Athens yoga has diversified. In the scramble to maintain operations and patrons amid the spreading coronavirus pandemic, Athens studios have invested in remote technology and embraced online class options as both a temporary patch and long-term product.
“We’ve definitely shifted our business model a little bit,” co-owner of M3Yoga Nick Combs said. “I mean the whole world has, really … we had about 40 virtual [classes each week], and we may not have that many, but we’ll always have that virtual option.”
M3Yoga shut down in-person classes on March 13. Right away, Combs was recording classes for online browsing and setting a schedule for sessions taught remotely.
“We’ve been really, really fortunate,” Combs said. “We have such an amazing community. Our people have been very responsive and pretty appreciative in general of our communication … we’ve had most of our people stick with us during this time.”
With distance, however, comes restrictions. Demonstrating poses in front of a TV hooked up to a Zoom-capable laptop makes teaching both less personable and less micro-manageable.
Instructors used to monitoring and correcting students’ poses have a harder time seeing tweaks and, given that the yoga is usually taught verbally rather than practiced along with a class, instructors have to be vocal while putting on a performance.
“We might have a lot of different cues for something,” Combs said. “But when we’re practicing like a power flow with you, we don’t have enough breath to give you. So we’re really learning the skill set of prioritizing what we can tell you and also trying to pay attention to the screen.”
That means providing follow-along classes while maintaining a vibrant personality, which Combs said helped make up for the connection lost in digital translation.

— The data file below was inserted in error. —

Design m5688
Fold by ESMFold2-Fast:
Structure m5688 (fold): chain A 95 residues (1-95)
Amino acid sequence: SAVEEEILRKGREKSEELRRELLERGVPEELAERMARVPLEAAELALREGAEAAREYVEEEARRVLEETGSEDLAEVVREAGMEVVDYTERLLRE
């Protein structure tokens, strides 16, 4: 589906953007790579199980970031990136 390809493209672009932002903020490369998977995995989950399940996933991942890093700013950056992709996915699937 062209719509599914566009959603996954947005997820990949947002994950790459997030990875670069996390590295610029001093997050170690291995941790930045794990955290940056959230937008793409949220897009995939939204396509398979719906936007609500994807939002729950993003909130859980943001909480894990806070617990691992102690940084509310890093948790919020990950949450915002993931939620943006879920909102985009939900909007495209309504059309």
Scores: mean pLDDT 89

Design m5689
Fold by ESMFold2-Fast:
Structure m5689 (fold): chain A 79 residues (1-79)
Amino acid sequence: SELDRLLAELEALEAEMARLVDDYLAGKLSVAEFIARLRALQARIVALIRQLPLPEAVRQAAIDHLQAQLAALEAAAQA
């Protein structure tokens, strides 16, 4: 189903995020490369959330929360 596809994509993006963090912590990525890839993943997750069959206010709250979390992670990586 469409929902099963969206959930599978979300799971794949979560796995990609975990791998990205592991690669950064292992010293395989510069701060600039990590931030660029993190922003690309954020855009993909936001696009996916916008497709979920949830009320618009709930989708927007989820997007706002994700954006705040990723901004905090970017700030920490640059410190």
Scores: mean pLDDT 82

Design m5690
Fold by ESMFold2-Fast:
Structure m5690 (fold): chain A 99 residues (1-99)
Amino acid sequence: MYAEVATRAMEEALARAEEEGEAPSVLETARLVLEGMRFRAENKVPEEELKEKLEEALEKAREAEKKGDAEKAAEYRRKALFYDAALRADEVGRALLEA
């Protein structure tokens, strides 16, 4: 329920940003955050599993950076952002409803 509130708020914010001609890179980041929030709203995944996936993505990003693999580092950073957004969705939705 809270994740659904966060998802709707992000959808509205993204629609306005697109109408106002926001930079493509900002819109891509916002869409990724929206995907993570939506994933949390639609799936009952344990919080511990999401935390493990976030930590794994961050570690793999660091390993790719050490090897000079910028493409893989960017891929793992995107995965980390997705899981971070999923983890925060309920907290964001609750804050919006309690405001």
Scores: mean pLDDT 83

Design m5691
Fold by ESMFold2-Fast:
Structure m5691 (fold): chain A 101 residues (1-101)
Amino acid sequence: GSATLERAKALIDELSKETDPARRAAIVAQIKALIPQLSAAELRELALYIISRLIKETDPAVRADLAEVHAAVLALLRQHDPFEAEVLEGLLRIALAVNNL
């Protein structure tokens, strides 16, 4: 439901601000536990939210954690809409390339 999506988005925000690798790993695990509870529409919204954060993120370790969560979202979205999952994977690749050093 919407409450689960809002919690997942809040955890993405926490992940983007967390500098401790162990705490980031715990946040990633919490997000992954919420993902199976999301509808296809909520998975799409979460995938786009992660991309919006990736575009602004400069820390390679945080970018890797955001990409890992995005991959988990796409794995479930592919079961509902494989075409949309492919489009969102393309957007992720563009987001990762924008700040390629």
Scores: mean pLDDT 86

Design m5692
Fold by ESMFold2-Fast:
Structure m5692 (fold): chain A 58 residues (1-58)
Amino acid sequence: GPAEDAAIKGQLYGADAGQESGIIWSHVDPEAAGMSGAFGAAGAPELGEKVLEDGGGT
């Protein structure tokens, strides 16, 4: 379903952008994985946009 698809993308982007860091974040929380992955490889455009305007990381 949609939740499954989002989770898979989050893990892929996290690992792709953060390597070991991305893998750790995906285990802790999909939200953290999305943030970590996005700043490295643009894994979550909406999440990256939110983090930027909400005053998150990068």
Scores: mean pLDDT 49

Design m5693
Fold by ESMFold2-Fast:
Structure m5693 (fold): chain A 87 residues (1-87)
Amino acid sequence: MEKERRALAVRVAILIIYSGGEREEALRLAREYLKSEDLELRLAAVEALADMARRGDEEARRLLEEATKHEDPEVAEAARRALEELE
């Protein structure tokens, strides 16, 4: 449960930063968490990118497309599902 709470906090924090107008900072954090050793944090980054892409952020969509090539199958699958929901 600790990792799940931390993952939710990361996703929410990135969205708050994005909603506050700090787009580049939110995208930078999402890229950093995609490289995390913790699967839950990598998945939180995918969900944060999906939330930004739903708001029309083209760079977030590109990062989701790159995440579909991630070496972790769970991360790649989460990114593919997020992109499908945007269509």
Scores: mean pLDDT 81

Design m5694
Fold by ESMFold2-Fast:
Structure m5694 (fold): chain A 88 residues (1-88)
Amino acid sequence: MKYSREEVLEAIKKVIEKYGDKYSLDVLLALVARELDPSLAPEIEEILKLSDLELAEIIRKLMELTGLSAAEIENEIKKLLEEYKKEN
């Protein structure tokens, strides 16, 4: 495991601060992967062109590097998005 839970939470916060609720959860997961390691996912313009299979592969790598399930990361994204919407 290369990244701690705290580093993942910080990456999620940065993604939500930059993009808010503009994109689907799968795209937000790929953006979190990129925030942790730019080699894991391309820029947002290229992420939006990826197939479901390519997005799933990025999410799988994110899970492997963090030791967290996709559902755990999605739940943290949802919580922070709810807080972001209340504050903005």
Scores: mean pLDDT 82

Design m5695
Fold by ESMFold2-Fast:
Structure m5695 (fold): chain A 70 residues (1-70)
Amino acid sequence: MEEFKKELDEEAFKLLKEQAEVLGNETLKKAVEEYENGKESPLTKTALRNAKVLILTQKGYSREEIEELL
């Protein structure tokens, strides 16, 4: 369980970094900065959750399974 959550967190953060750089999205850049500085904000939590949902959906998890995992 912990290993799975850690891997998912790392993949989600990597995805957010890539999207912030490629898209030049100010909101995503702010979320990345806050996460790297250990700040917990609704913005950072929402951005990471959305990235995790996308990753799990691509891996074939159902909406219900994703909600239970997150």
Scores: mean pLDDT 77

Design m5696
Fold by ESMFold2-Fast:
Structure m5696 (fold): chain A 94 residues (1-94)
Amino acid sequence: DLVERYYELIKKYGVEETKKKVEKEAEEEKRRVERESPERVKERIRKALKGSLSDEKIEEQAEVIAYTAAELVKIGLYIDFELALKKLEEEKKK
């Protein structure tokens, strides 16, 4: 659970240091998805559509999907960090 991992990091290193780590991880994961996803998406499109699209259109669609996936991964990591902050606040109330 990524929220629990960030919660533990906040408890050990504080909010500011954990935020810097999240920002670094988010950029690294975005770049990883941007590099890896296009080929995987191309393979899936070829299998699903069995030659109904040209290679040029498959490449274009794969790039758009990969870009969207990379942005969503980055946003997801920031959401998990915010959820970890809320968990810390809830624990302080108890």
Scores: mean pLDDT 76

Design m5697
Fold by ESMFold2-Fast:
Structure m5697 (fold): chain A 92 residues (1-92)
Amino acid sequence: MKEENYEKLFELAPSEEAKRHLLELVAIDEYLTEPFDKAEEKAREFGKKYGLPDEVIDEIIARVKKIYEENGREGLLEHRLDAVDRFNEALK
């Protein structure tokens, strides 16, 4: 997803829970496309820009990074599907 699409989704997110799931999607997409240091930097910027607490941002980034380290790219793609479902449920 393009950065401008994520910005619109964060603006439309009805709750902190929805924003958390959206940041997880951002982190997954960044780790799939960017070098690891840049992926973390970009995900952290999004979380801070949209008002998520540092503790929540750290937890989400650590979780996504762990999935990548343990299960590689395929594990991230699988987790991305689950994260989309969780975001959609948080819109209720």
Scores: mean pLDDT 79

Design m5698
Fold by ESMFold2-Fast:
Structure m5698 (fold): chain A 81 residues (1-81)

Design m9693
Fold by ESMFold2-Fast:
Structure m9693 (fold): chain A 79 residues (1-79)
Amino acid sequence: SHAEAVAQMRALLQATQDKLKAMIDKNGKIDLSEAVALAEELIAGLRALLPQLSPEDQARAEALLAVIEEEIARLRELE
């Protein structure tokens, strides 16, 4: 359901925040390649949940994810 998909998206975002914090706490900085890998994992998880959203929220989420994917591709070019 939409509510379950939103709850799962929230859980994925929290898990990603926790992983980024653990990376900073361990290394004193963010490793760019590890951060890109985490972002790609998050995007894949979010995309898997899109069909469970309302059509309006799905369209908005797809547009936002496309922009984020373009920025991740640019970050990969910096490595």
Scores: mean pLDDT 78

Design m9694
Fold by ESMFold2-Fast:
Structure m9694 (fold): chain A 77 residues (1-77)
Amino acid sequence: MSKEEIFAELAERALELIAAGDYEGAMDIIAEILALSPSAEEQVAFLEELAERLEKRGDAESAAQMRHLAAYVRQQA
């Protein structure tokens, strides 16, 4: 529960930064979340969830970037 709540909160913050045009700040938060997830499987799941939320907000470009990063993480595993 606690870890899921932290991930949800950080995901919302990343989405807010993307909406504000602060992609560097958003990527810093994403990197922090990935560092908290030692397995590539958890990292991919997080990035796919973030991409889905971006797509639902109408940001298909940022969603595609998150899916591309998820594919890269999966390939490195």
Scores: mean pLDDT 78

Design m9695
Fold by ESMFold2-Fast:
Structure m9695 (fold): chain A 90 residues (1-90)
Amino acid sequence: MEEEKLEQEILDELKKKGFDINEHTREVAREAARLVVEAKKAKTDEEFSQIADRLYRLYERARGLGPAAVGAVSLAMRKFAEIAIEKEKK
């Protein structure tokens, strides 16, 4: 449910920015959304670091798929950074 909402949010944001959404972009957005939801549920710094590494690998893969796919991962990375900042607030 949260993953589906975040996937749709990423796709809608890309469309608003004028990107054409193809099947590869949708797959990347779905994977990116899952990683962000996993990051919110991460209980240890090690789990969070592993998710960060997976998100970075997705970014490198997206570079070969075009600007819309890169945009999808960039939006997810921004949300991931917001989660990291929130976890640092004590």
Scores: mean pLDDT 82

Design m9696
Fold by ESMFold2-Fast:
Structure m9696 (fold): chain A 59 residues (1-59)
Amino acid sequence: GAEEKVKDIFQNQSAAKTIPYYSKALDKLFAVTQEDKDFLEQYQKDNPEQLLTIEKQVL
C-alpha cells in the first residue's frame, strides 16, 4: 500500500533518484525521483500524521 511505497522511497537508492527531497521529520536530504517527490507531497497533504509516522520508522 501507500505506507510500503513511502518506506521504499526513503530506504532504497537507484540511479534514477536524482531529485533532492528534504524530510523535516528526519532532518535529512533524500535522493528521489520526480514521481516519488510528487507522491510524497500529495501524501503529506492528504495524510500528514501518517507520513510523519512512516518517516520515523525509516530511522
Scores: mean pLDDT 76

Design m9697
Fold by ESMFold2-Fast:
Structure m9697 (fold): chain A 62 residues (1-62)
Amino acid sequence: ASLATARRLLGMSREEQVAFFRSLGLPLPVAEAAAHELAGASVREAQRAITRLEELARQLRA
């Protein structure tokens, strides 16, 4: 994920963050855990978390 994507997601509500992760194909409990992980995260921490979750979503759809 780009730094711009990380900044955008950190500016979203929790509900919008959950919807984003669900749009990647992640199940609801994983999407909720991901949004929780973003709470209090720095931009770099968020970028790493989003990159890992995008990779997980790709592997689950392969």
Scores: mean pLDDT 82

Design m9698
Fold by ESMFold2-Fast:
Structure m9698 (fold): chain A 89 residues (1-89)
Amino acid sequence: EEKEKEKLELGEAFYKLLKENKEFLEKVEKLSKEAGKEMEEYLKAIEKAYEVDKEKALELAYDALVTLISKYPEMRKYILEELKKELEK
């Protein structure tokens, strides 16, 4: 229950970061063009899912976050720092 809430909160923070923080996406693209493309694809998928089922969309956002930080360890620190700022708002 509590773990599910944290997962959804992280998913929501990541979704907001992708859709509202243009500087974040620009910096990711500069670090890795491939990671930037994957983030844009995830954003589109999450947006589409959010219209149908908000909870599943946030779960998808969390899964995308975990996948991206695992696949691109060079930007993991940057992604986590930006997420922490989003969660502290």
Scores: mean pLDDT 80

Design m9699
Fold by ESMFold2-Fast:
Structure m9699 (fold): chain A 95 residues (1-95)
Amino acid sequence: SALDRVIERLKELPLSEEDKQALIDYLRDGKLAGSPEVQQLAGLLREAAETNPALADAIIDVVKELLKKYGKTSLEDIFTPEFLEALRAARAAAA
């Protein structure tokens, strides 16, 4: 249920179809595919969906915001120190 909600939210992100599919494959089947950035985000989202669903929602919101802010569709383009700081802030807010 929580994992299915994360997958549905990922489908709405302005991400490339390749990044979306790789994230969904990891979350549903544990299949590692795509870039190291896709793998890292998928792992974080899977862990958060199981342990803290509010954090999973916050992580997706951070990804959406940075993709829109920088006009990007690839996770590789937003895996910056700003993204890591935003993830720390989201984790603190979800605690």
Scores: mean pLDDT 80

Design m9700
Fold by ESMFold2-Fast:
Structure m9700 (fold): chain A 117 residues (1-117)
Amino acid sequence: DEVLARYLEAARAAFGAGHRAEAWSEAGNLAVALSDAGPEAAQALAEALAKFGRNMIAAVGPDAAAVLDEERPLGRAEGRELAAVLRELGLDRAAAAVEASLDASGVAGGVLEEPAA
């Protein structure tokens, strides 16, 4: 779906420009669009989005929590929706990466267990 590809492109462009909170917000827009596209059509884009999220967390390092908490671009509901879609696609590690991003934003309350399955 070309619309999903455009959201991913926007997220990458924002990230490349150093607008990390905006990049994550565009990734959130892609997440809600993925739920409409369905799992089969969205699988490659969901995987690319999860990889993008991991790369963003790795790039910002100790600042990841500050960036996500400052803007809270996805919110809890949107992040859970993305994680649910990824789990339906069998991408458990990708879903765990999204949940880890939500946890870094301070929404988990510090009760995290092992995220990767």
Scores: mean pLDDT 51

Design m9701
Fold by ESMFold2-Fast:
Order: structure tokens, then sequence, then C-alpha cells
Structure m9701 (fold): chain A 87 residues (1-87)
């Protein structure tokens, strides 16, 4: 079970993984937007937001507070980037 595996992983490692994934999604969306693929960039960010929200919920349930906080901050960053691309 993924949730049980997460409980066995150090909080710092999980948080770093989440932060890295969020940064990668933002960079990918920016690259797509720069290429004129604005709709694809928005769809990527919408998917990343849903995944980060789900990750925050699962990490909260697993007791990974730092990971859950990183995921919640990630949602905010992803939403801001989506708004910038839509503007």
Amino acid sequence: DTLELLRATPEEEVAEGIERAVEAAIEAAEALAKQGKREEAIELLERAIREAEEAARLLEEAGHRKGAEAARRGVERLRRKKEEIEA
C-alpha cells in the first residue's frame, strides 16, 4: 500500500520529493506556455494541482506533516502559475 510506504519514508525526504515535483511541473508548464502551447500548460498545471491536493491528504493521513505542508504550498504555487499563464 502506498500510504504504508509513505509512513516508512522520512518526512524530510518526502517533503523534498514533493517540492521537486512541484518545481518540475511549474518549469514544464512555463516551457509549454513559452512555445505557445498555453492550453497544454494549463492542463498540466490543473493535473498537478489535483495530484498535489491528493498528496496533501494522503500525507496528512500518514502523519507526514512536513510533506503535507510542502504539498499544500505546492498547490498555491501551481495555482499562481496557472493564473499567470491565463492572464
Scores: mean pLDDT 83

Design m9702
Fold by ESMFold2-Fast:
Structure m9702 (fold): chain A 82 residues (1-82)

M3 reopened its studio on June 15. Combs recorded a tutorial video on how to enter — masked and with a mat from home — to get a temperature check and proceed to the yoga room. Virtual classes are still an option as Combs, a registered nurse, monitors COVID-19 information and begins the transition toward fuller classes and more face-to-face options.
Restructured operations have been a double edged sword for most studios. On the one hand, studio owners like Anne Ethier of Five Points Yoga have welcomed atypical students to online classes. People from out of state, even in England, have posed in her sessions, and those who usually suspend their membership during the summer can still join. On the other hand, with a mountain of virtual content to go around, it can be difficult to stand out.
“You can look at it from a real scary point of view and go ‘Oh my God, we’re competing not only with every other livestream studio in town, but also internationally.’” Ethier said. “That can be a little overwhelming. But then … people are drawn to your studio because they like you and your community.”
Ethier said a majority of her online patrons have been returning students, and her class sizes have stayed consistent.
Five Points Yoga has hosted two outside, socially-distanced classes as a prelude to the studio’s reopening, which Ethier said will begin in July by popular demand.